Many of us fantasize about quitting the workforce while we’re still relatively young, before our children grow into adults and we lose the energy to do the things we love. Then, most of us wake up and get back to work. The amazing thing is, there’s a group of people for whom this is clearly more than a pipe dream.

Do a quick web search and you’ll find a slew of message boards and online classes that offer the basics of “FIRE,” shorthand for “financially independent, retiring early.” Surprisingly, it’s a community that includes a lot of folks without huge salaries—though a healthy paycheck certainly makes the move easier.

So what enables these individuals to make early retirement a reality? It’s not winning the lottery. It’s something much more achievable, though definitely not easy: restraint.

Financial planners typically advise clients to divert 10 percent or more of their salary toward retirement accounts. That advice holds up pretty well if you’re trying to retire in your mid-60s. However, those looking for financial independence at 55, or even 45, need to go after a much more extreme version. At a minimum, the truly FIRE-focused are putting at least half of their income into long-term investments.

As you can imagine, that requires some serious belt-tightening. It starts with keeping those big-ticket items in check. Unless you’re making an elite salary, that means modest homes and second-hand cars. By cutting back on nonessential expenses, you’re freeing up more of your income for investments.

Creating a Savings Target

When you consider how much money you’d need for an extended retirement, you can see why it calls for such an aggressive savings strategy. According to one widely cited maxim, you can safely pull out 4 percent of your investments in your first year of retirement and—adjusting withdrawals for inflation in subsequent years—with reasonable certainty that you won’t outlive your investments.

Some finance experts, however, point out that this axiom was designed for a more or less average retirement length. Those planning a 40-year retirement, they say, should use a more conservative withdrawal rate of 3.5 percent.

What that means is that your nest egg would have to equal 28½ times your annual expenses in order to make it work. Let’s say you live frugally, forgoing a spacious house for a cozy apartment and keeping your discretionary spending to a minimum. After factoring in Social Security benefits, you estimate that you can live off a mere $30,000 from your investments in year one.

You’d still need $855,000 stowed away before you can make that happen. And that’s without factoring in inflation, which will erode your purchasing power over time. Needless to say, building strong savings habits early on in your career and sticking with them are imperative.

Keep in mind that the 4 percent rule—or 3.5 percent rule, in this case—assumes an even mix of stocks and bonds. Too much reliance on fixed-income securities won’t provide the growth your assets will require over several decades. If anything, early retirees need a slightly higher percentage of stocks to fuel their portfolio over the long haul.

Choosing the Right Investments

One of the assumptions that’s sometimes made about FIRE is that you need the investment skills of a Warren Buffett in order to make it happen. Sure, you can afford to quit your job if you just hit on the right stock at just the right time! The fact is that few investors are that good—or that lucky. The real key is choosing the right asset mix and giving as little away to taxes and management fees as possible.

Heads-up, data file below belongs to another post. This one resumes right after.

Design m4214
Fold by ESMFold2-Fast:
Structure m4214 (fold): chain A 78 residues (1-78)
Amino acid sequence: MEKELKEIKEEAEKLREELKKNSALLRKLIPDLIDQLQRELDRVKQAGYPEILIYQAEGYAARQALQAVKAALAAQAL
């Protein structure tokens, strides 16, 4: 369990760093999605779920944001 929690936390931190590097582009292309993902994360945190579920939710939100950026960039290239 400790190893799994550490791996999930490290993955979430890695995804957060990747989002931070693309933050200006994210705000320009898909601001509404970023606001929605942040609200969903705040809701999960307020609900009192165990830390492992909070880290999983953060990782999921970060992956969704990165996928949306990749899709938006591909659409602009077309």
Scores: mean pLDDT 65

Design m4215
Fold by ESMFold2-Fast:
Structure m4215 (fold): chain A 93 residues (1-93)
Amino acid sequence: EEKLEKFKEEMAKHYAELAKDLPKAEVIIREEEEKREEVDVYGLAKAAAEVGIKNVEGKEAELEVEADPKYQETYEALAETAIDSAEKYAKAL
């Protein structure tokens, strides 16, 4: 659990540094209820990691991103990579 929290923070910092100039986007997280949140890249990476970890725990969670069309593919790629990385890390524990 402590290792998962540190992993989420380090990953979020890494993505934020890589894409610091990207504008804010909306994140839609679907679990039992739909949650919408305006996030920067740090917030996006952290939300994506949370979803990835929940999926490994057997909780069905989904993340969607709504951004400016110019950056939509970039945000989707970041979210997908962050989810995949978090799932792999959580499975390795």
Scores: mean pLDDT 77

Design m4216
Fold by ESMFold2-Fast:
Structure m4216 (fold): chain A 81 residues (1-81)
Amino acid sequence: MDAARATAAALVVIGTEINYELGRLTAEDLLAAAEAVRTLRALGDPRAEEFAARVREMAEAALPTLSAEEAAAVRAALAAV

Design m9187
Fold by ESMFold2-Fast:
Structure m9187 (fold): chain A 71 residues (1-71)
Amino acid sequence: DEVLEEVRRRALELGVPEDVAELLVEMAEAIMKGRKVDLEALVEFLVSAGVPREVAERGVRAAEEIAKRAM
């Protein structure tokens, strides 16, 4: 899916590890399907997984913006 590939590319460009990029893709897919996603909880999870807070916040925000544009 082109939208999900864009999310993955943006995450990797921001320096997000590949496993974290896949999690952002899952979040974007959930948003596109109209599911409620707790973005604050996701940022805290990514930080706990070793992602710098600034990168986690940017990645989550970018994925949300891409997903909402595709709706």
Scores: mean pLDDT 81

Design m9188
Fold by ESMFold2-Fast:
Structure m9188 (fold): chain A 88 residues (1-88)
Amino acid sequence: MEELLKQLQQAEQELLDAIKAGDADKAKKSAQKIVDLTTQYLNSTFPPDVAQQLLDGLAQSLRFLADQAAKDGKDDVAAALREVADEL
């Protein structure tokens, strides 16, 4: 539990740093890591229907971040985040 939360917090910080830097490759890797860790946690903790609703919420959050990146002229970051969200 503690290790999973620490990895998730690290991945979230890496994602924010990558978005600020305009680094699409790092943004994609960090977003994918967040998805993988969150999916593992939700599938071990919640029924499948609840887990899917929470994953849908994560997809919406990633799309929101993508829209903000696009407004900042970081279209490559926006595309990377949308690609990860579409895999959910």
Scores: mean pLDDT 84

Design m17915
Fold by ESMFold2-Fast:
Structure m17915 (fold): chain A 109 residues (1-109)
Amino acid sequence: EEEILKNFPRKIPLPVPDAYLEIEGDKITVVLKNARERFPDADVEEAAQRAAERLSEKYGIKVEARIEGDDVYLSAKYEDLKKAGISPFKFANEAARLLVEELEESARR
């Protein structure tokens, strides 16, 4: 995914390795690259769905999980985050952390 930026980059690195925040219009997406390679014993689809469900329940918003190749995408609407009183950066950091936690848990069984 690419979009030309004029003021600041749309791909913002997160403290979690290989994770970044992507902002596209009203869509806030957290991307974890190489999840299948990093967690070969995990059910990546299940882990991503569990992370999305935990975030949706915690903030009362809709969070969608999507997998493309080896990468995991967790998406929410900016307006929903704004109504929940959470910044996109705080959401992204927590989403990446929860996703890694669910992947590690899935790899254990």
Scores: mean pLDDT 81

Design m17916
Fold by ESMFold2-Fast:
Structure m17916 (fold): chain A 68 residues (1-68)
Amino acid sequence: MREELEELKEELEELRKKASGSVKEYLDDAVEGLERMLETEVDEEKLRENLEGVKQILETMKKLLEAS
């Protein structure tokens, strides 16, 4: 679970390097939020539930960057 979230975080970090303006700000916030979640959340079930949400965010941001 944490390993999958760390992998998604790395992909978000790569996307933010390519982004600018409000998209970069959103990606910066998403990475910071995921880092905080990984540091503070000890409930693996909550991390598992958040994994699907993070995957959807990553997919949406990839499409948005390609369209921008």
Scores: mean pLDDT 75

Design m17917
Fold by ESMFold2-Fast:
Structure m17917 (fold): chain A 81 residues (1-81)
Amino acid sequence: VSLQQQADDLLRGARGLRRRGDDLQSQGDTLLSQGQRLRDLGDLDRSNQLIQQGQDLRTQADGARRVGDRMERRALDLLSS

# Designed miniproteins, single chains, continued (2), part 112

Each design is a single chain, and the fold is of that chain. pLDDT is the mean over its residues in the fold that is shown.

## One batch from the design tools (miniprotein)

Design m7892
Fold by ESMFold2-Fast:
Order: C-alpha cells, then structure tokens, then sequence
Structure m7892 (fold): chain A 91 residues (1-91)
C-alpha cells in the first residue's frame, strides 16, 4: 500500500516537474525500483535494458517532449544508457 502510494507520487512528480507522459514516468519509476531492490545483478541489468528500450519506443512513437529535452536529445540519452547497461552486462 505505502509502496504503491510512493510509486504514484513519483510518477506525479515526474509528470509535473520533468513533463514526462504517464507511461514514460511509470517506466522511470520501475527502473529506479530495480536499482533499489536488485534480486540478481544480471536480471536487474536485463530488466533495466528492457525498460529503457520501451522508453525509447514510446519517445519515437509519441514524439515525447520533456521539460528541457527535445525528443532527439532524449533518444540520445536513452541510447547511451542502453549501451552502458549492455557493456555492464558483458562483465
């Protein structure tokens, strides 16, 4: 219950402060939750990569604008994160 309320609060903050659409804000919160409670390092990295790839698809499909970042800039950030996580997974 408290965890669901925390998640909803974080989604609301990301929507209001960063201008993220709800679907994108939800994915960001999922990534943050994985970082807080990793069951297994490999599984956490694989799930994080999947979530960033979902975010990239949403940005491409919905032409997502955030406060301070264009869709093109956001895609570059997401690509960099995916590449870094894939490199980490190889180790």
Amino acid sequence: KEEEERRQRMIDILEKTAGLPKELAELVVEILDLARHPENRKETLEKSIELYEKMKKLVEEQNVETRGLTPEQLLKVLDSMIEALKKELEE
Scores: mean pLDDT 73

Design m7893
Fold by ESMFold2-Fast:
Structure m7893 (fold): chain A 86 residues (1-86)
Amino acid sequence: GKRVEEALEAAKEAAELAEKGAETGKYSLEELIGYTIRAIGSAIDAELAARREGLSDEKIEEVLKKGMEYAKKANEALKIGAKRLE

• Step one is skewing your portfolio toward stocks. Do this especially early in your career, when you have time to wait out a market downturn. There are merits to increasing your bond holdings as you get closer to retirement, but most middle-aged retirees still need more than half their assets in equities in order to provide long-term growth.
  • Another key strategy is limiting the bite Uncle Sam takes of your nest egg. That means maximizing the money you put into tax-advantaged workplace plans and IRAs. Younger workers can put up to $18,000 into their 401(k) each year ($18,500, starting in 2018), and workers who are 50 and over can contribute another $6,000. (You’re also allowed to put an additional $5,500 into a traditional or Roth IRA (those in the 50-and-older age range can contribute an additional $1,000).
  • Avoid tax penalties. The kicker is that you ordinarily won’t be able to tap those assets until you’re 59½, lest you incur a harsh 10 percent penalty on the amount you withdraw. (These penalties apply only to Roth earnings, by the way, not Roth contributions.) So you’ll need to avail yourself of taxable accounts too.

Where to put that money? Index funds are an obvious choice, for a number of reasons. They don’t buy and sell securities as frequently as other funds and therefore don’t produce as much taxable income that weighs down your return. In addition, funds that track an index don’t charge nearly as much in management fees as actively traded ones.

Companies such as Vanguard and Fidelity have a number of funds with expense ratios under 0.06 percent. This means that year in and year out they’re taking a much smaller sliver from your balance. Also, they’re inherently diversified, often holding pieces of hundreds or thousands of different securities. As a result, they spread out risk much more effectively than a small, hand-picked basket of stocks or bond issues.

Is FIRE a practical solution for most workers? Probably not. But if you’re smart and willing to make some financial sacrifices, the reward of a long, relaxing retirement awaits.

 

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